Suit Up: Finding The Right Wetsuit For You

Not all wetsuits are created equal, so we put seven very different suits in the water to find out how they stack up in speed and comfort.

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Originally used to protect swimmers from cold water, wetsuits now rival TT bikes in technological features. Not only do many of today’s suits fit like a second skin, they also enhance speed and efficiency by improving body position, aiding rotation from stroke to stroke and reducing overall drag. And now they can make an athlete look like a superhero, six-pack abs included (see Tyr’s Freak of Nature). But just like bikes, not all wetsuits are created equal, so we put seven very different suits in the water to find out how they stack up in speed and comfort.

This article originally appeared in the May/June 2012 issue of Inside Triathlon magazine.

2XU ST:3 Sleeveless Team $280

Best for: Good swimmers

It’s tricky to make a sleeveless suit with neck and shoulder openings that form a good seal without feeling uncomfortably tight. 2XU comes close with the ST:3. “I can’t believe no water slipped down my back and chest,” one tester reported. Swimmers with naturally decent body position will find that this suit does not force up hips and legs awkwardly while still making nice hydrodynamic body position. The wetsuit has respectable flexibility through the torso and legs, however the collar might be too tight for some.

Tyr Freak of Nature $1,200

Best for: Showing off, comfort

For athletes looking to make a statement on the start line, the Freak is clearly the frontrunner. But what do you get for $1,200? “It feels like it was custom-made for me,” said one enthusiastic tester. Made entirely of the most flexible wetsuit rubber, Yamamoto #40, the Freak conforms to the entire body like a second skin, with panels for extra buoyancy placed in exactly the right spots to aid swim position and rotation without noticeable bulk. The low, comfortable collar keeps water out without hindering sighting, while the tire-tread forearm panels feel like they enhance forearm propulsion. With the right aero helmet, the Freak could also be worn as an Iron Man superhero costume on Halloween, an extra use that may help justify the eye-popping price tag.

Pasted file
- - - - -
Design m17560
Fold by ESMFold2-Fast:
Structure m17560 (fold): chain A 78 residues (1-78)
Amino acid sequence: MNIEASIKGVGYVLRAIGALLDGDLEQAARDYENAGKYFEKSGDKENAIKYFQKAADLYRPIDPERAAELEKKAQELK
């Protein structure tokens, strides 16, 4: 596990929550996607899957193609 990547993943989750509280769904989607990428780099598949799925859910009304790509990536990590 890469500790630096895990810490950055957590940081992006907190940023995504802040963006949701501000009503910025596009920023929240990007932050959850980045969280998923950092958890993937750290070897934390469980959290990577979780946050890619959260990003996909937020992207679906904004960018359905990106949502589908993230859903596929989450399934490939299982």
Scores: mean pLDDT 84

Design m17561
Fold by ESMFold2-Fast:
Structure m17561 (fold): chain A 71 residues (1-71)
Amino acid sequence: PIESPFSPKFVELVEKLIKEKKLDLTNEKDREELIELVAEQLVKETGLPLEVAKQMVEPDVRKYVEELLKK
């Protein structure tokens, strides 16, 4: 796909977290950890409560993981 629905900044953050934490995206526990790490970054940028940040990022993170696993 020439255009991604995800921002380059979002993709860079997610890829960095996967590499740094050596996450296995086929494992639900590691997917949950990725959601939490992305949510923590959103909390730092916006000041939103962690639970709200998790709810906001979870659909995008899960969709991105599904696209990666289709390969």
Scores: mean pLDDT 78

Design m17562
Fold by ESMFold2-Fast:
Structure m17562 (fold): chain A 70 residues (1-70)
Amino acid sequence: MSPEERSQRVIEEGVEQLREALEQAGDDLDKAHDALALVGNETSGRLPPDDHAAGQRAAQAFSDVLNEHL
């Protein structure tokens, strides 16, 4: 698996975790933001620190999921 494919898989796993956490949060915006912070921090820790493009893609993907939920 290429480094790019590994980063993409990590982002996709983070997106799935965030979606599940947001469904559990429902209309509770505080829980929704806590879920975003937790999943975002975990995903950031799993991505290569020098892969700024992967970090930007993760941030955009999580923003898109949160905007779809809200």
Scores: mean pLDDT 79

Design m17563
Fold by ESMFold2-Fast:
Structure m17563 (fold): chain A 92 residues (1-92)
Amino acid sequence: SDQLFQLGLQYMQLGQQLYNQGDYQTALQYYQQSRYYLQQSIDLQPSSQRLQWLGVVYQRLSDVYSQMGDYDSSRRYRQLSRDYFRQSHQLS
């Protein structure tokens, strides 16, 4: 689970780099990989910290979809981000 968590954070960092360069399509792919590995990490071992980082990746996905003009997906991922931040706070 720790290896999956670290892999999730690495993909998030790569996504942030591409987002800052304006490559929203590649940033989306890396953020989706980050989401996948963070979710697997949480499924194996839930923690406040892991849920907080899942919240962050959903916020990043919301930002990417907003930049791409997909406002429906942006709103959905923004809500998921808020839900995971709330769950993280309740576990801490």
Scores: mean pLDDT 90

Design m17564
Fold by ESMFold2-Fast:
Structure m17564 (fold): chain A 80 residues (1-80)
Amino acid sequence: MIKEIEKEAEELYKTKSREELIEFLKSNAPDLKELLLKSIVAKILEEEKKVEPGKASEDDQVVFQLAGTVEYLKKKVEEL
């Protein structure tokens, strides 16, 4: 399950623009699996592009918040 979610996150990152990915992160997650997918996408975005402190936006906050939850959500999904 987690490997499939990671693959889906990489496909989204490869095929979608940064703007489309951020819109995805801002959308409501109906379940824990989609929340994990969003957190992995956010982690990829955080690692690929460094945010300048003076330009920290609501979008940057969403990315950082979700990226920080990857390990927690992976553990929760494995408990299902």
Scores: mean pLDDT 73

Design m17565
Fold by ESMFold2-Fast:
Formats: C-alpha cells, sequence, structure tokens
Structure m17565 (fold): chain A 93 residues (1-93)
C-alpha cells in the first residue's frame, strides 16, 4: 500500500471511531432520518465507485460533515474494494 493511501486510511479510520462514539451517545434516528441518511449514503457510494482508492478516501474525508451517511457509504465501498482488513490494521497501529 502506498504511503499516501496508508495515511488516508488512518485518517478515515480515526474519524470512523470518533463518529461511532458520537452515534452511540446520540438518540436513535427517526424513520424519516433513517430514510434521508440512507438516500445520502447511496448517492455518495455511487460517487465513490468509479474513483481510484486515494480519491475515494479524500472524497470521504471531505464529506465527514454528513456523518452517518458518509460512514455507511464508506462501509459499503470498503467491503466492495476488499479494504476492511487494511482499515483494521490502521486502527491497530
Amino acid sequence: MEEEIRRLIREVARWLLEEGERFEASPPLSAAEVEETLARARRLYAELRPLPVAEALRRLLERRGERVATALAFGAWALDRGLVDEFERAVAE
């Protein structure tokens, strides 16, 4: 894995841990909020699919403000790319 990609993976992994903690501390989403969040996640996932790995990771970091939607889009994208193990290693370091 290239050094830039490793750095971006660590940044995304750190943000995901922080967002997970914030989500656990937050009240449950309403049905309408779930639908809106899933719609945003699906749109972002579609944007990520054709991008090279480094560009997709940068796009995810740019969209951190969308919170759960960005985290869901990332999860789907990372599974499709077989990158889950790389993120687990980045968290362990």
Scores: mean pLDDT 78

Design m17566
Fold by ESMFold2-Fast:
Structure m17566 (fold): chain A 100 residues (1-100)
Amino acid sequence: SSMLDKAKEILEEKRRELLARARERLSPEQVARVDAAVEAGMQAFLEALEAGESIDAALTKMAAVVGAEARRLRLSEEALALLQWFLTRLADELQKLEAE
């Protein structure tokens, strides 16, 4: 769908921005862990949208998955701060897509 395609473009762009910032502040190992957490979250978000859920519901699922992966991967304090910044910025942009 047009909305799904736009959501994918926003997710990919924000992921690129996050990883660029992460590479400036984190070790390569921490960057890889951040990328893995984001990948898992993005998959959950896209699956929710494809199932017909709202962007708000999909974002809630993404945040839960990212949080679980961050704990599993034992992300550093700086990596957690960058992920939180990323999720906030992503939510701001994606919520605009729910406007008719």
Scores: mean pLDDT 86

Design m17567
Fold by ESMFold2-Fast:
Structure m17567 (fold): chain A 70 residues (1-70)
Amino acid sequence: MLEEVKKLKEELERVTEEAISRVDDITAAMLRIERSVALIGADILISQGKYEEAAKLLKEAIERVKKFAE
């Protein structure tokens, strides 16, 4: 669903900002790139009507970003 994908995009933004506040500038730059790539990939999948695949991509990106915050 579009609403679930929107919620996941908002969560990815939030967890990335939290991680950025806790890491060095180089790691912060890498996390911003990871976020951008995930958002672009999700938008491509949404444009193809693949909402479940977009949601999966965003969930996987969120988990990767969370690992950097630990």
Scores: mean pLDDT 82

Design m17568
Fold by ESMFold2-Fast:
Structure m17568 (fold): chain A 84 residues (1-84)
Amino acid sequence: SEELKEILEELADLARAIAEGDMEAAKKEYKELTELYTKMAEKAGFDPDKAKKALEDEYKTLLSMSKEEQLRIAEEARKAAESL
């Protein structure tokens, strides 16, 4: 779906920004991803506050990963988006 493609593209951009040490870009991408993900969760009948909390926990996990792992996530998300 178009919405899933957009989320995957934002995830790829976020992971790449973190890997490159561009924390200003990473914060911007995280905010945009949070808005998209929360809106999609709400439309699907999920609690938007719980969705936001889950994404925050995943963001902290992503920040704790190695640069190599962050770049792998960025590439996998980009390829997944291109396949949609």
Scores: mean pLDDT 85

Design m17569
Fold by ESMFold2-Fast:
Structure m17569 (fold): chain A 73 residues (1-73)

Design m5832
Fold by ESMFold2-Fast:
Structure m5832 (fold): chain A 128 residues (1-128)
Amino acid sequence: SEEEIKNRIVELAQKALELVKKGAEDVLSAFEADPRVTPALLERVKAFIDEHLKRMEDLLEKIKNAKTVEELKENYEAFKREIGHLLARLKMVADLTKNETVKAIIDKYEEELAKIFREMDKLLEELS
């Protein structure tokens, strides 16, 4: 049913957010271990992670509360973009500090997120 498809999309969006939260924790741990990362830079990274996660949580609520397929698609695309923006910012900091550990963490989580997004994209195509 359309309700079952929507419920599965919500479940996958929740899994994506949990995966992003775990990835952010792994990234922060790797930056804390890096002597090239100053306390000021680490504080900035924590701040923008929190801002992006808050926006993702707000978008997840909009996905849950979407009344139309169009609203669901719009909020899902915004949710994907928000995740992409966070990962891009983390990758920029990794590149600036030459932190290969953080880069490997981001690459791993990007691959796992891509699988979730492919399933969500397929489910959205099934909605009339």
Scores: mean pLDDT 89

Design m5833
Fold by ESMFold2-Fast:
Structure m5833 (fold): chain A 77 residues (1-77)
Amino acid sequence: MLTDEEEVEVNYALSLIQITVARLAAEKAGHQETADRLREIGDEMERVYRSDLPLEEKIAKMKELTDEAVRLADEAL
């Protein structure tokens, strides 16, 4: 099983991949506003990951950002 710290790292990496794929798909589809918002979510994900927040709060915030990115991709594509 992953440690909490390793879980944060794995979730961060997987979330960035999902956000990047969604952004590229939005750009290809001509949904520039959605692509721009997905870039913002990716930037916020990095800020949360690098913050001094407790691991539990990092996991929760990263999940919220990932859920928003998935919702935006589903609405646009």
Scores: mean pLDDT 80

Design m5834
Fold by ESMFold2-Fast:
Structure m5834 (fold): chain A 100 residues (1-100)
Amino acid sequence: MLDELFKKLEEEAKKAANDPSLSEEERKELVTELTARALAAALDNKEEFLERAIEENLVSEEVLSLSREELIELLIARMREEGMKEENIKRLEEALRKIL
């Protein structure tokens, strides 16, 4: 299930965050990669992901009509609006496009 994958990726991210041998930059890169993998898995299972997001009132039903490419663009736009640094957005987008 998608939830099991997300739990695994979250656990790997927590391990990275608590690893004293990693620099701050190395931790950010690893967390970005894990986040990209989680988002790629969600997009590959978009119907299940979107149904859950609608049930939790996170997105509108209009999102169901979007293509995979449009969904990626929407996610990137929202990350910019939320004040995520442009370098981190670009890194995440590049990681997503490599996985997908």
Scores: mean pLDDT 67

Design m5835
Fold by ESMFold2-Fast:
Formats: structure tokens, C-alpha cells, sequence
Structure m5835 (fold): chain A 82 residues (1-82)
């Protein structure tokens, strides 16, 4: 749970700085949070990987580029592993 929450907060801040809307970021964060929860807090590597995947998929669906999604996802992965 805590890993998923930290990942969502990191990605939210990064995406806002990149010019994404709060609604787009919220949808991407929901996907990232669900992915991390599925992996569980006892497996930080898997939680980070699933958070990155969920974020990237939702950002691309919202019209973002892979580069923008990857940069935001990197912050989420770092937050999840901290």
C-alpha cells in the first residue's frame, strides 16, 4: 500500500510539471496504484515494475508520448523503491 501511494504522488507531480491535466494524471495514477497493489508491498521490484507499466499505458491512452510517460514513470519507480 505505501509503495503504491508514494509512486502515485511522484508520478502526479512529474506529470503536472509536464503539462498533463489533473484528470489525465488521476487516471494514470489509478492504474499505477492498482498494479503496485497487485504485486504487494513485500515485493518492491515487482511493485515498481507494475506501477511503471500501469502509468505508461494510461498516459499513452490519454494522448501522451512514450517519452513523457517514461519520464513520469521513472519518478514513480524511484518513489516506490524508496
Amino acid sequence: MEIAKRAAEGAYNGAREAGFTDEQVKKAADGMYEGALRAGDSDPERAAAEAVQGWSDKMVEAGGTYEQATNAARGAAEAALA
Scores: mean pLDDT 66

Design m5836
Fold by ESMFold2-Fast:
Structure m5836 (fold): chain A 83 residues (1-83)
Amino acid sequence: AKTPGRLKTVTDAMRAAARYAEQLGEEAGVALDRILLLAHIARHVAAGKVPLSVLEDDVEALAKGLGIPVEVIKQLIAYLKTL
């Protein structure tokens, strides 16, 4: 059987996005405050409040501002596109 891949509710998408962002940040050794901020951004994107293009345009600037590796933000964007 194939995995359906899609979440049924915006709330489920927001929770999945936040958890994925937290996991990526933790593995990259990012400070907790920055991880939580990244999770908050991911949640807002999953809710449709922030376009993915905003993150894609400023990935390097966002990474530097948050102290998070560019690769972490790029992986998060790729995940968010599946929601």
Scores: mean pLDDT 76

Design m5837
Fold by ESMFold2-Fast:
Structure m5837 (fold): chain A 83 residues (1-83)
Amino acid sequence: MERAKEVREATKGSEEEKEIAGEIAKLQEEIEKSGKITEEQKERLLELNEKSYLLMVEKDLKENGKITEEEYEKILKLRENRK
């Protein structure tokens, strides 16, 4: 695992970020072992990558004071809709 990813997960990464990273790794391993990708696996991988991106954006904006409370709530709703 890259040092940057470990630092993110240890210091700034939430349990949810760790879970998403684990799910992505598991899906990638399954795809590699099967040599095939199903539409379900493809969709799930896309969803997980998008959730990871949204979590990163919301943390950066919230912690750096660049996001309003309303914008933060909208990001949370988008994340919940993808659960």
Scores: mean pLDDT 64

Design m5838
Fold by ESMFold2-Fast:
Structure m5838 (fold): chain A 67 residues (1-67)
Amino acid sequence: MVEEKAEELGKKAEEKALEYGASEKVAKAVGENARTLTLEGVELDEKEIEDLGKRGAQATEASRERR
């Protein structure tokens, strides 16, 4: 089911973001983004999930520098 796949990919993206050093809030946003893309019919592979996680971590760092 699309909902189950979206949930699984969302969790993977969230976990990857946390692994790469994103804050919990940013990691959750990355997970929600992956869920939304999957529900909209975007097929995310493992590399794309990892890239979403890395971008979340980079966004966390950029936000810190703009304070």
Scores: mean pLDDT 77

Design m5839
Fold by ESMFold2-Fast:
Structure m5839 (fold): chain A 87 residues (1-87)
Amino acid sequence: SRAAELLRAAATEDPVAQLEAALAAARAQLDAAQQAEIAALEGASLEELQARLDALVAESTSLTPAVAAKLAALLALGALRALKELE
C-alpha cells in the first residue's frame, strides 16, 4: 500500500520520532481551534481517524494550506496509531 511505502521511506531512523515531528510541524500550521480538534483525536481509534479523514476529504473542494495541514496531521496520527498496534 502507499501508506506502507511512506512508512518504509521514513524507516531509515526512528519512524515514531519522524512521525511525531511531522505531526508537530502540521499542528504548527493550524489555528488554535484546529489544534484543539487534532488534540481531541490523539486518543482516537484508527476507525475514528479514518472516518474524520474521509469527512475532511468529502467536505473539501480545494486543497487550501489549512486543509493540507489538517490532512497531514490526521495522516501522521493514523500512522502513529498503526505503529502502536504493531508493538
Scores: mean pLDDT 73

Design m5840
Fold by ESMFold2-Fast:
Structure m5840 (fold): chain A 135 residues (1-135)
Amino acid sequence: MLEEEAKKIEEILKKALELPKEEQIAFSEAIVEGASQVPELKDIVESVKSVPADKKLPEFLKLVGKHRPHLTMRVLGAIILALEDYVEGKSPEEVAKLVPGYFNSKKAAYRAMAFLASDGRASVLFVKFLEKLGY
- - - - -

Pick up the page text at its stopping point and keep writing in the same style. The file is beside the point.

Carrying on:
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Orca Alpha $650

Best for: Comfort

Made from a mix of the most flexible Yamamoto #40 rubber and their second-most flexible variety, #39, the Alpha fits like a second skin. “It’s like the wetsuit equivalent of a Snuggie blanket, if Snuggies could glide through water,” raved one tester. Featuring thick five-millimeter patches of neoprene over the butt and quads, the suit gently raises hips up into perfect alignment without sacrificing flexibility anywhere in the suit. The low-profile collar kept water out without feeling too tight or limiting ability to sight. It’s best for experienced swimmers who don’t need a big lift in the water and need to feel uninhibited by their wetsuit. Our testers didn’t feel the forearm panels made a noticeable difference in stroke efficiency.